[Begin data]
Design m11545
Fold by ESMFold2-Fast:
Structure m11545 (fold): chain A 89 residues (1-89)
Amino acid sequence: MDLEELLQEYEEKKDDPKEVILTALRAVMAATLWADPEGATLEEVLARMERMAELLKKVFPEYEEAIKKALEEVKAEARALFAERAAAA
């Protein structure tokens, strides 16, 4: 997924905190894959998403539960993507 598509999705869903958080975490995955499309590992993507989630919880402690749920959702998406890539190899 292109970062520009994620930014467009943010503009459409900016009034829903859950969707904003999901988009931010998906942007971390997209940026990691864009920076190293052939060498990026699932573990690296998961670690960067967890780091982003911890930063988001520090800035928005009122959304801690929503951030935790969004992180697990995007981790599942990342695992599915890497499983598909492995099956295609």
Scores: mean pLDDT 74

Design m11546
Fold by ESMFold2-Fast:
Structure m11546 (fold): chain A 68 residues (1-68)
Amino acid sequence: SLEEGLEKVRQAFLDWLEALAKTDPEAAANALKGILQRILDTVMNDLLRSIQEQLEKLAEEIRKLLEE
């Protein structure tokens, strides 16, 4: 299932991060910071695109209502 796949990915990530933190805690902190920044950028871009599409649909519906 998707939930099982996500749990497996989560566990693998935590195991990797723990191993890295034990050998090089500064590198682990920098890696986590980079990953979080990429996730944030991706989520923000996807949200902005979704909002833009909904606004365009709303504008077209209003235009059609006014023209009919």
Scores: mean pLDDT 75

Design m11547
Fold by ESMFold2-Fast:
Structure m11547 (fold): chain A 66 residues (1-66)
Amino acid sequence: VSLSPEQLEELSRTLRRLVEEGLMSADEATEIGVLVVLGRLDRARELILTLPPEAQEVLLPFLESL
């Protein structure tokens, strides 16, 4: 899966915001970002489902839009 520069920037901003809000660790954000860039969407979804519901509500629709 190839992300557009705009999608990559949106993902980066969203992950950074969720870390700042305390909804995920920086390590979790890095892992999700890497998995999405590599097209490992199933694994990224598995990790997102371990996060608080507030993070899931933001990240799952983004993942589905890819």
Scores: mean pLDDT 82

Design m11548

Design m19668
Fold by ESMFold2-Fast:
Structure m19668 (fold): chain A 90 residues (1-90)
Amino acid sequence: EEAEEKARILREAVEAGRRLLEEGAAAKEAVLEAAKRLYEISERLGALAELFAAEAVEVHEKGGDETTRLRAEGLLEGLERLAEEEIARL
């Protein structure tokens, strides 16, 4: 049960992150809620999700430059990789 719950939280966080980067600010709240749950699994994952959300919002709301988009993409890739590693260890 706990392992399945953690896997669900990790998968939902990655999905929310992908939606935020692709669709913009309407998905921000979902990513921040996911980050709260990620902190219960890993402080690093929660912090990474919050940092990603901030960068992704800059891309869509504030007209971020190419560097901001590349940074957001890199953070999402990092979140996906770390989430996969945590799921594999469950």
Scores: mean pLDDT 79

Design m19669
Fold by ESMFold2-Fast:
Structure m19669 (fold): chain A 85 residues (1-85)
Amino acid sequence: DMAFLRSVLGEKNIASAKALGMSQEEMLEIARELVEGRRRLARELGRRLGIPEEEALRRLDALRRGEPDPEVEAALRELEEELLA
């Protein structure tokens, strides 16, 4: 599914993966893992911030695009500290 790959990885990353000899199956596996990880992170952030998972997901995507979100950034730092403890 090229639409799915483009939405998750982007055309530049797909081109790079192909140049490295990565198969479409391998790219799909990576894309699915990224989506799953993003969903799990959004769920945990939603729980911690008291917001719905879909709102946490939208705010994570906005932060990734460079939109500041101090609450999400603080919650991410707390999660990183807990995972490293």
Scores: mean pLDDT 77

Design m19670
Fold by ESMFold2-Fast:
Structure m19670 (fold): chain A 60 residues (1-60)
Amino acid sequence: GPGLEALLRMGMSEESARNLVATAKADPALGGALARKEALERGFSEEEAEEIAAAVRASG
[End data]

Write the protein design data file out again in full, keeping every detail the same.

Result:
Design m11545
Fold by ESMFold2-Fast:
Structure m11545 (fold): chain A 89 residues (1-89)
Amino acid sequence: MDLEELLQEYEEKKDDPKEVILTALRAVMAATLWADPEGATLEEVLARMERMAELLKKVFPEYEEAIKKALEEVKAEARALFAERAAAA
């Protein structure tokens, strides 16, 4: 997924905190894959998403539960993507 598509999705869903958080975490995955499309590992993507989630919880402690749920959702998406890539190899 292109970062520009994620930014467009943010503009459409900016009034829903859950969707904003999901988009931010998906942007971390997209940026990691864009920076190293052939060498990026699932573990690296998961670690960067967890780091982003911890930063988001520090800035928005009122959304801690929503951030935790969004992180697990995007981790599942990342695992599915890497499983598909492995099956295609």
Scores: mean pLDDT 74

Design m11546
Fold by ESMFold2-Fast:
Structure m11546 (fold): chain A 68 residues (1-68)
Amino acid sequence: SLEEGLEKVRQAFLDWLEALAKTDPEAAANALKGILQRILDTVMNDLLRSIQEQLEKLAEEIRKLLEE
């Protein structure tokens, strides 16, 4: 299932991060910071695109209502 796949990915990530933190805690902190920044950028871009599409649909519906 998707939930099982996500749990497996989560566990693998935590195991990797723990191993890295034990050998090089500064590198682990920098890696986590980079990953979080990429996730944030991706989520923000996807949200902005979704909002833009909904606004365009709303504008077209209003235009059609006014023209009919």
Scores: mean pLDDT 75

Design m11547
Fold by ESMFold2-Fast:
Structure m11547 (fold): chain A 66 residues (1-66)
Amino acid sequence: VSLSPEQLEELSRTLRRLVEEGLMSADEATEIGVLVVLGRLDRARELILTLPPEAQEVLLPFLESL
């Protein structure tokens, strides 16, 4: 899966915001970002489902839009 520069920037901003809000660790954000860039969407979804519901509500629709 190839992300557009705009999608990559949106993902980066969203992950950074969720870390700042305390909804995920920086390590979790890095892992999700890497998995999405590599097209490992199933694994990224598995990790997102371990996060608080507030993070899931933001990240799952983004993942589905890819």
Scores: mean pLDDT 82

Design m11548

Design m19668
Fold by ESMFold2-Fast:
Structure m19668 (fold): chain A 90 residues (1-90)
Amino acid sequence: EEAEEKARILREAVEAGRRLLEEGAAAKEAVLEAAKRLYEISERLGALAELFAAEAVEVHEKGGDETTRLRAEGLLEGLERLAEEEIARL
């Protein structure tokens, strides 16, 4: 049960992150809620999700430059990789 719950939280966080980067600010709240749950699994994952959300919002709301988009993409890739590693260890 706990392992399945953690896997669900990790998968939902990655999905929310992908939606935020692709669709913009309407998905921000979902990513921040996911980050709260990620902190219960890993402080690093929660912090990474919050940092990603901030960068992704800059891309869509504030007209971020190419560097901001590349940074957001890199953070999402990092979140996906770390989430996969945590799921594999469950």
Scores: mean pLDDT 79

Design m19669
Fold by ESMFold2-Fast:
Structure m19669 (fold): chain A 85 residues (1-85)
Amino acid sequence: DMAFLRSVLGEKNIASAKALGMSQEEMLEIARELVEGRRRLARELGRRLGIPEEEALRRLDALRRGEPDPEVEAALRELEEELLA
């Protein structure tokens, strides 16, 4: 599914993966893992911030695009500290 790959990885990353000899199956596996990880992170952030998972997901995507979100950034730092403890 090229639409799915483009939405998750982007055309530049797909081109790079192909140049490295990565198969479409391998790219799909990576894309699915990224989506799953993003969903799990959004769920945990939603729980911690008291917001719905879909709102946490939208705010994570906005932060990734460079939109500041101090609450999400603080919650991410707390999660990183807990995972490293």
Scores: mean pLDDT 77

Design m19670
Fold by ESMFold2-Fast:
Structure m19670 (fold): chain A 60 residues (1-60)
Amino acid sequence: GPGLEALLRMGMSEESARNLVATAKADPALGGALARKEALERGFSEEEAEEIAAAVRASG